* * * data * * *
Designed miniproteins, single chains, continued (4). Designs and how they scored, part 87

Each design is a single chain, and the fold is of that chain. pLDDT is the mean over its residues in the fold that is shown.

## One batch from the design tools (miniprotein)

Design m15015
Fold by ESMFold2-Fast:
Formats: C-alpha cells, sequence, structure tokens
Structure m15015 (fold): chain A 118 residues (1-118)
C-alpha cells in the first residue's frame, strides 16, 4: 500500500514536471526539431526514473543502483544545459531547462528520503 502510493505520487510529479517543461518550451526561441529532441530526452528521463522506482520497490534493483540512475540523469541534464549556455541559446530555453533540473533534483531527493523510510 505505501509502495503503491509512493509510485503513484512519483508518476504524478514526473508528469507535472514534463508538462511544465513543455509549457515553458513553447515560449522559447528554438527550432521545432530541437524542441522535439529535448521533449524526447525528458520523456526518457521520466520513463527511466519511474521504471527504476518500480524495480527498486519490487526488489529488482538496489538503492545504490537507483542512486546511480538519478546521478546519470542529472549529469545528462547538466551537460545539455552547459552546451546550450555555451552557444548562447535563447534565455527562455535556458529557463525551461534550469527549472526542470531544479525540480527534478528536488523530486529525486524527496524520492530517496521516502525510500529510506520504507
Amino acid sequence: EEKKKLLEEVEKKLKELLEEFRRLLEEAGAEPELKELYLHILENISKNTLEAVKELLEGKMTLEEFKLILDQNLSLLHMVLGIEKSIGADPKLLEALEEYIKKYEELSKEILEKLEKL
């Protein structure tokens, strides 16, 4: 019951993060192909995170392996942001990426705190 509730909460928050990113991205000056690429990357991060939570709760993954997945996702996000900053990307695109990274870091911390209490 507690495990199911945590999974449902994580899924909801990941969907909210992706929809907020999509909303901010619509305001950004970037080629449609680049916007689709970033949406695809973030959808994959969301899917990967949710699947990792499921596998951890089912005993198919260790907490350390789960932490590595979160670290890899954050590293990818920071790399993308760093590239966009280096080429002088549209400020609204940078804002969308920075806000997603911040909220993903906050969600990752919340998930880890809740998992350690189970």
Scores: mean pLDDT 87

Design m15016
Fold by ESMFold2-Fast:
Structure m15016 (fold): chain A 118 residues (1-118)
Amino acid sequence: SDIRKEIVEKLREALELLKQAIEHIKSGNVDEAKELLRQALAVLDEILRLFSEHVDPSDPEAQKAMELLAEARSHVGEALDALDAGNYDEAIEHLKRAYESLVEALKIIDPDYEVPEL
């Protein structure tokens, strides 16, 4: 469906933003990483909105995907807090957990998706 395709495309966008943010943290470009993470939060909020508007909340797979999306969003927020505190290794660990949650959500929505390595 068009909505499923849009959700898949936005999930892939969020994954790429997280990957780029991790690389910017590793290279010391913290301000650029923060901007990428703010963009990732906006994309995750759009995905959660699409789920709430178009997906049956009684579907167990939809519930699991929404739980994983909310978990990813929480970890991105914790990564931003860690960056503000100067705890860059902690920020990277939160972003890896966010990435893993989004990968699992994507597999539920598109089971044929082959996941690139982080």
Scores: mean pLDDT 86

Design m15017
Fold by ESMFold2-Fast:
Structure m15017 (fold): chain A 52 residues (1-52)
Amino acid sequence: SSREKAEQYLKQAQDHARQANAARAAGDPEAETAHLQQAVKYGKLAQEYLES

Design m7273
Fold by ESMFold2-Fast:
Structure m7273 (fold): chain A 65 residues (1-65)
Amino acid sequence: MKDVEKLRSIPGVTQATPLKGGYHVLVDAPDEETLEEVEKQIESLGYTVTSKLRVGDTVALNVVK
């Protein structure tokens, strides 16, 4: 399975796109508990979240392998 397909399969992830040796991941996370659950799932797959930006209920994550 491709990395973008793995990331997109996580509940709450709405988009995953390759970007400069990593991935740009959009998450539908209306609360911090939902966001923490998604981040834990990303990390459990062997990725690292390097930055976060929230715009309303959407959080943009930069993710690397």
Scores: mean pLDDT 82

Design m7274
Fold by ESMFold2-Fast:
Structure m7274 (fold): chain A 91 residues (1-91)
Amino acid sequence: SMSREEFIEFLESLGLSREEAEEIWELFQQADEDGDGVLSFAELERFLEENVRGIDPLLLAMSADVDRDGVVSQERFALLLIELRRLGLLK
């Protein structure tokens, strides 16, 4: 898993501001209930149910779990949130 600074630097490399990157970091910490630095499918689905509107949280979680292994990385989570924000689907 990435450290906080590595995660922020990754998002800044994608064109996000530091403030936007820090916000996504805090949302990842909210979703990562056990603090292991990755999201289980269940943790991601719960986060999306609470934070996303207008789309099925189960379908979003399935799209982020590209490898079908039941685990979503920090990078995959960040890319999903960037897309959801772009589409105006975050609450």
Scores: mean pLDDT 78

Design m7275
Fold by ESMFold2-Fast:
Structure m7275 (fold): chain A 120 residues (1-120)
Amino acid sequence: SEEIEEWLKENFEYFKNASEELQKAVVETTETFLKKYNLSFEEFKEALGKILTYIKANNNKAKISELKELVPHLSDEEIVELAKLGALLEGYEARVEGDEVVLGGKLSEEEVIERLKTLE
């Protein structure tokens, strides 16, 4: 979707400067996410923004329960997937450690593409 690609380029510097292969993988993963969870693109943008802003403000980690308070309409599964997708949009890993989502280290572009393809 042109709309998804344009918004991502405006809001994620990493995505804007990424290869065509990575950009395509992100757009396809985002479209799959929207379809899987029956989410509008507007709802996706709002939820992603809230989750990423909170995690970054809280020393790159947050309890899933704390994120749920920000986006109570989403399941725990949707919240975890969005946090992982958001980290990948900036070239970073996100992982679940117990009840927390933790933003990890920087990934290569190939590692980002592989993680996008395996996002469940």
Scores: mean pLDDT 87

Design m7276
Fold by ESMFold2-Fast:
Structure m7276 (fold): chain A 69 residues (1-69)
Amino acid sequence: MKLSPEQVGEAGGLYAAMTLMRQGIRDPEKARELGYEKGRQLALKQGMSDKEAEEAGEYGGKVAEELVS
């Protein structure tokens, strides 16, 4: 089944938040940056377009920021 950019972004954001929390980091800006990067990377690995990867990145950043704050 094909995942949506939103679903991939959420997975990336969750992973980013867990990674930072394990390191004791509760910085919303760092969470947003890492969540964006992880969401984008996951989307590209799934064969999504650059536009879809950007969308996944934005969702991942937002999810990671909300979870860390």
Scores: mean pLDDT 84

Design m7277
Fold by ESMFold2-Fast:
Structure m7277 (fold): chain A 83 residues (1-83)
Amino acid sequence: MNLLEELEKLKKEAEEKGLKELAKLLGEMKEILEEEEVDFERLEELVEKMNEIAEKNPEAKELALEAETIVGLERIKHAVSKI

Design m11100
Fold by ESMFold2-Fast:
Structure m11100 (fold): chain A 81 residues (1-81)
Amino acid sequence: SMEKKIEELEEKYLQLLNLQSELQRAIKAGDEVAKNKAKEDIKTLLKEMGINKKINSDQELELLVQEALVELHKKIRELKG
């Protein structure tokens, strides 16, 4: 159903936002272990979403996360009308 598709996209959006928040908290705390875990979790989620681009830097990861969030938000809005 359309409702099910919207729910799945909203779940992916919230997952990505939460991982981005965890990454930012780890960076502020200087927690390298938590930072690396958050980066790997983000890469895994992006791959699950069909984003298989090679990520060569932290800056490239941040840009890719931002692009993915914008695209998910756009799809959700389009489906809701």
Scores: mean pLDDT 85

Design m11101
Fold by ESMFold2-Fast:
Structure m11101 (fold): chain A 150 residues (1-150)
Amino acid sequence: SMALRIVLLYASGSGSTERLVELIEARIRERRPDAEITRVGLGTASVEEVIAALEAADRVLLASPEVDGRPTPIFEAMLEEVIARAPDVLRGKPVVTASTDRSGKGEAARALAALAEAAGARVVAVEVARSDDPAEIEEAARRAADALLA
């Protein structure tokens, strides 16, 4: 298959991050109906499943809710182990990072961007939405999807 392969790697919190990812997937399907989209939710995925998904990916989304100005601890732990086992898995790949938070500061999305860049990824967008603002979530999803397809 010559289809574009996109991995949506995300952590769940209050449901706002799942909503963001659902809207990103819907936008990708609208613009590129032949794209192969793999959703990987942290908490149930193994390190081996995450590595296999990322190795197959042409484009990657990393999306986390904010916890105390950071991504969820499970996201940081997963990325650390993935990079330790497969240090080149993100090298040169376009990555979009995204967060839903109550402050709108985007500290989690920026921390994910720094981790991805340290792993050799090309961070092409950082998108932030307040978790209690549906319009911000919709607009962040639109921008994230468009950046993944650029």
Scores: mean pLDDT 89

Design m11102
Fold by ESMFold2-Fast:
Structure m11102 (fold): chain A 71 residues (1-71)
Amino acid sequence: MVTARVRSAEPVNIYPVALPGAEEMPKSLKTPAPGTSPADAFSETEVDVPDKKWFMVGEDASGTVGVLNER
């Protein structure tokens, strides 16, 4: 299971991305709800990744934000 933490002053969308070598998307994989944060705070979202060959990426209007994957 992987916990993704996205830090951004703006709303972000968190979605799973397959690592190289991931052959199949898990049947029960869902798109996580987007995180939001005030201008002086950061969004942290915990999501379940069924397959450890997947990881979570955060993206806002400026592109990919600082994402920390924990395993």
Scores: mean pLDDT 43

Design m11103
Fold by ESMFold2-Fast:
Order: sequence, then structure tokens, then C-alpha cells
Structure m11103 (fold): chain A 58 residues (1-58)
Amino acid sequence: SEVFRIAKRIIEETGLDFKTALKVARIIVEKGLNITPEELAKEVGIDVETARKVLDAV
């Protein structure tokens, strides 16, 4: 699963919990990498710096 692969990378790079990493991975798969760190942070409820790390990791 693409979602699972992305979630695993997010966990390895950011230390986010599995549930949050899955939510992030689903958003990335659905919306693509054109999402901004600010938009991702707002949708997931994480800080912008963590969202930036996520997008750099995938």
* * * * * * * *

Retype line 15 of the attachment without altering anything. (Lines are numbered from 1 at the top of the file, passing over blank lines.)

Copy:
Amino acid sequence: SDIRKEIVEKLREALELLKQAIEHIKSGNVDEAKELLRQALAVLDEILRLFSEHVDPSDPEAQKAMELLAEARSHVGEALDALDAGNYDEAIEHLKRAYESLVEALKIIDPDYEVPEL